People know they can find God in prayer. They can read their Bible, if they so choose. Those who have left the Catholic faith have embraced semi-religious practices like Yoga and meditation, where they experience peace and the presence of God. Others have gone to other Christian faiths that may offer more social programs, more effective evangelization, support for families. All of this can be experienced in the process of growing in faith.
I’ve met families who enroll their children in a sacramental program while attending the local mega-church. Why? I asked them. The answer: the children’s program. My own son-in-law is being pressured by his daughter to go back to church. Which one? “They’ll have to have a children’s program,” was his reply.
Yet we have a treasure: the Wedding Banquet of the Lamb. It’s an undiscovered treasure, even for many who go to mass regularly. Do people know that Jesus is present, speaking to us in his Word? Do they understand that in the Eucharist we are outside of time and space, directly united with Jesus at the Last Supper and on the Cross? Do they know that our prayer together in this assembly has the power of Jesus’ promise: “For where two or three are gathered in my name, I am there among them.” And of course, there is the miracle of bread and wine becoming Christ’s body and blood.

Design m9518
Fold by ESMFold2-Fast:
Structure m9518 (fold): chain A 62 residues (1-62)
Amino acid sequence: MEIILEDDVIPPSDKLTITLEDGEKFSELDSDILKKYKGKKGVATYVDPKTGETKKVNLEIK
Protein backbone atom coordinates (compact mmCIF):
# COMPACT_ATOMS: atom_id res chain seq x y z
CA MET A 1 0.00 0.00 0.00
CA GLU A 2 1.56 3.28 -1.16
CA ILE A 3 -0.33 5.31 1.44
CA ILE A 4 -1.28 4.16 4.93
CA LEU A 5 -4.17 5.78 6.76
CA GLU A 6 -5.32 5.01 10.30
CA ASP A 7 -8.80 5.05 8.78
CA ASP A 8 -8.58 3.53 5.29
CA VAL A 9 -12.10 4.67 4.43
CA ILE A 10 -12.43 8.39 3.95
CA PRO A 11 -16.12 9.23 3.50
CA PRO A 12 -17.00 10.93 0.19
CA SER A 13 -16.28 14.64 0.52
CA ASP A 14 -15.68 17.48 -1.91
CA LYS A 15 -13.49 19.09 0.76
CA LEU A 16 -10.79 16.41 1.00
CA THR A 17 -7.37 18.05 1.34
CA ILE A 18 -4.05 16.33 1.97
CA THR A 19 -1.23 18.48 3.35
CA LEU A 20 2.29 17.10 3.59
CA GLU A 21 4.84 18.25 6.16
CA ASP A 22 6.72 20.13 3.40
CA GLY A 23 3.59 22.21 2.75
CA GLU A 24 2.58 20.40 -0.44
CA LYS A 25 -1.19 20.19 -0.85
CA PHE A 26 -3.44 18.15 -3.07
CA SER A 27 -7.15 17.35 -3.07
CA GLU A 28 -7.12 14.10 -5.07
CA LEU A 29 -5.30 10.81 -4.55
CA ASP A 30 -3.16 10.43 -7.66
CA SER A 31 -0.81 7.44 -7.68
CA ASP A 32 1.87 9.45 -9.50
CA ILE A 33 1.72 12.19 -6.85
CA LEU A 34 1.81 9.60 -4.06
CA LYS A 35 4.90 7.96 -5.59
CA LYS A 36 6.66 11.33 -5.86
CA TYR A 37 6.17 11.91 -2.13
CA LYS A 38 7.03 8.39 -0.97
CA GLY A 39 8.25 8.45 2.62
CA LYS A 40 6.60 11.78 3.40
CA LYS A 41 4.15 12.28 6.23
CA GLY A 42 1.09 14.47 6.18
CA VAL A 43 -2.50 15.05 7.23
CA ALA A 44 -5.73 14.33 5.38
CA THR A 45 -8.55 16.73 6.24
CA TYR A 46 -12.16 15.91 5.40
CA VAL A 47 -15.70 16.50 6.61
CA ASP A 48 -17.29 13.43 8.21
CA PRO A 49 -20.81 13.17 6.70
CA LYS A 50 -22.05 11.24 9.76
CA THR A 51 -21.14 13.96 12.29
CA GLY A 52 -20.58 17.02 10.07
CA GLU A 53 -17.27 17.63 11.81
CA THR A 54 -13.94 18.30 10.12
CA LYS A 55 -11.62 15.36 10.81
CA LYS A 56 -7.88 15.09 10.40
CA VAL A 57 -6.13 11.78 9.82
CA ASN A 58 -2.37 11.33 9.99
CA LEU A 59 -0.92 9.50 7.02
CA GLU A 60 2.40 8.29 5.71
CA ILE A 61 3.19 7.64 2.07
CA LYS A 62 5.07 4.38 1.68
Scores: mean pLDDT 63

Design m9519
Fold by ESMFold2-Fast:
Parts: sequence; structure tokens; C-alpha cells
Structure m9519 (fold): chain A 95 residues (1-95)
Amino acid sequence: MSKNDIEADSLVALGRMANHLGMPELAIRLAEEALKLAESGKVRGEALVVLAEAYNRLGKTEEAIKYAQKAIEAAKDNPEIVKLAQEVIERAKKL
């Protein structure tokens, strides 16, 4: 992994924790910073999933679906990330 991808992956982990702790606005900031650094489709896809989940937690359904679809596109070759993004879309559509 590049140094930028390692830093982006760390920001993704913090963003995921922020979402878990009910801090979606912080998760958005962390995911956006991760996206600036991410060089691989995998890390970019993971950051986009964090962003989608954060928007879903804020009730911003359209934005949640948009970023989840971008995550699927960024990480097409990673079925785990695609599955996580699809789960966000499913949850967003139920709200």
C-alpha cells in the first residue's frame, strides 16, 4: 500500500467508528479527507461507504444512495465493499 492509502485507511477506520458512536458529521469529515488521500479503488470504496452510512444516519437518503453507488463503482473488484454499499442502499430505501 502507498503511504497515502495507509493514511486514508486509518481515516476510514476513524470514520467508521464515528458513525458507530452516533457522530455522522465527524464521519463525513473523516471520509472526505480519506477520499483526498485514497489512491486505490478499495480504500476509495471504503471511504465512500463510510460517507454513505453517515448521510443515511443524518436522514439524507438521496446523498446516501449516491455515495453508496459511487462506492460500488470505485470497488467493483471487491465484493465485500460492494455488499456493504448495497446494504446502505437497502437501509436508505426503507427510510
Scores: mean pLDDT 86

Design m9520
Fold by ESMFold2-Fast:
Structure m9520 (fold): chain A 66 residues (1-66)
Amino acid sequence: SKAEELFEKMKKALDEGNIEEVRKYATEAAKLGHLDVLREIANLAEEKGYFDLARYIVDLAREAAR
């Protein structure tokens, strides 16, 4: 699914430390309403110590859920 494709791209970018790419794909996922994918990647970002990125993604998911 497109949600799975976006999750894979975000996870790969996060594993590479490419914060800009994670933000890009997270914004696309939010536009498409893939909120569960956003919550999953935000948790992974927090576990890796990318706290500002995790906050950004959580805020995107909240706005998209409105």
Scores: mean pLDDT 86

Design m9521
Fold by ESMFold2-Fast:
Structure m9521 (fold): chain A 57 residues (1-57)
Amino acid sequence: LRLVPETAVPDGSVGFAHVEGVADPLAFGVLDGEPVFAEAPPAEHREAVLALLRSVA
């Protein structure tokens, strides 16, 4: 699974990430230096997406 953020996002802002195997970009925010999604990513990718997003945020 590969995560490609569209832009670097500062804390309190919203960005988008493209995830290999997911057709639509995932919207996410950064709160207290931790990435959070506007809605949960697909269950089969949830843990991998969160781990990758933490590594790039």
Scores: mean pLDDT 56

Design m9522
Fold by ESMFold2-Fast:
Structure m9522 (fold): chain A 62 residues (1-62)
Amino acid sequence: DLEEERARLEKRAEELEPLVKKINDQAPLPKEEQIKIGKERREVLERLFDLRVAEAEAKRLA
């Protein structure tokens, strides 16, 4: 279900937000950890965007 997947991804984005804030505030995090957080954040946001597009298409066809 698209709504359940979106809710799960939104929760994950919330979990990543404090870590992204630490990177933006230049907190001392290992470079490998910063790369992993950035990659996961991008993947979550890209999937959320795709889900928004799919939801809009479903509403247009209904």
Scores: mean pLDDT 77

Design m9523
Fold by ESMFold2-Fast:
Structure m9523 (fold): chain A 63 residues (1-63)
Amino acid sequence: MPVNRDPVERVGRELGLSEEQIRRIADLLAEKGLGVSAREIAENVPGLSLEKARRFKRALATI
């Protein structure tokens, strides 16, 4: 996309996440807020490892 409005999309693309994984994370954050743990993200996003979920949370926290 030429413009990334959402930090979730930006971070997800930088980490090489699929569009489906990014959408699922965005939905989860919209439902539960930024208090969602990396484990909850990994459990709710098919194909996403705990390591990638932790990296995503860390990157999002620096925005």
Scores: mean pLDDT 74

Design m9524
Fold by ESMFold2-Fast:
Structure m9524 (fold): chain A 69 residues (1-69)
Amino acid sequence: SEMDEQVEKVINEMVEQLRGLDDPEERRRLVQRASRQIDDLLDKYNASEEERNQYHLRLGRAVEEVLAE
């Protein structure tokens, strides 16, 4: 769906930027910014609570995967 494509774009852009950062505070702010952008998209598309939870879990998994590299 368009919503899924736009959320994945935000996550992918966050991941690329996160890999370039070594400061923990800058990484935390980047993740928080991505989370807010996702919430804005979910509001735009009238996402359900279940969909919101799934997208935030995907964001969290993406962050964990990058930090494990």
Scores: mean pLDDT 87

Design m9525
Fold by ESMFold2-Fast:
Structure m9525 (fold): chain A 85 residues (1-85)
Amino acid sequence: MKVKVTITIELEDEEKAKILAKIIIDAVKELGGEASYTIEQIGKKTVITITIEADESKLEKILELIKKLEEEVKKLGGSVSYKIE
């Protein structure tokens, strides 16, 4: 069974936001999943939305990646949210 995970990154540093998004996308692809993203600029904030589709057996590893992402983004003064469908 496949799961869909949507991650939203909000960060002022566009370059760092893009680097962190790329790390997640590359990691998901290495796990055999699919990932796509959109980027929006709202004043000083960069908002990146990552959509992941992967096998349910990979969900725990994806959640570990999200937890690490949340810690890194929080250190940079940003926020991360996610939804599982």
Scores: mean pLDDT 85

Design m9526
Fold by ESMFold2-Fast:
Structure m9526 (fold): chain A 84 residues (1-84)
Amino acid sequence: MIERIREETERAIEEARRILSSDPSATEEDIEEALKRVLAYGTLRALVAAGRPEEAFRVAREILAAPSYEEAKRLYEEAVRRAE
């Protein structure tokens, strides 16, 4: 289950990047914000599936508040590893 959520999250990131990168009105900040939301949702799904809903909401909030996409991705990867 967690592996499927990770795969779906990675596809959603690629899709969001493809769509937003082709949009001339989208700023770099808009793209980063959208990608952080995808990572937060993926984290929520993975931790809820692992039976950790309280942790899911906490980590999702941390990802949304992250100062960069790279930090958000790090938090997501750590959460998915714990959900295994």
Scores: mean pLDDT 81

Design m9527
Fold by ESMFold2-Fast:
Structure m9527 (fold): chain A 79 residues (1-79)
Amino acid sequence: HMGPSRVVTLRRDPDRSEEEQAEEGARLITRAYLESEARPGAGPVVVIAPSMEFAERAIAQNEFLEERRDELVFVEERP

All I’m saying is: are we selling this effectively?
As I said, you can’t control people’s thoughts and beliefs. Those come from conversion, intellectual or spiritual. In 6th Grade the catechism lesson on the Eucharist, memorized every year for 5 years previous to that, came alive for me. I remember the moment when I said, “What? If this is true, then I should be at mass!” I had been at Sunday mass weekly since infancy, of course, but now it was my own faith that took over.
Yes, I had had that truth drilled into me year after year. But the thing is, how will people today learn about the treasure of the Eucharist unless they hear about it, and how will they hear unless they are at mass? And will they come to mass unless we make it attractive, unless we make it an authentic image of what we say it is?
At that banquet we were invited to, given by the king, we would not, obviously, check out the kitchen first thing; we would not focus all of our attention on the food. We would listen to the host and show our enthusiastic interest in what he or she has to say. But would we ignore the other guests? This is a banquet, not a sandwich alone at your desk.
One of the most convincing proofs of God’s presence in an assembly is love shown to all who come. It is the pastor who greets people after mass; it is the people who greet others at the door; it is ushers who help people find a place to sit.
Love cultivates the ground for faith.
My 6th Grade faith found nourishment in loving parents—my dad even took me to 6:30 Mass (A.M.) that Lent. It can be no accident that Sr. Margaret Mary was an outstandingly loving teacher as well. But God did the work.
Transubstantiation is an important intellectual concept. It is also difficult and needs cultivating. I suggest that we have not done all we can to nurture faith in the Eucharistic Mystery—a faith that will fearlessly draw others back to mass.
Copyright 2023 by Frances Rossi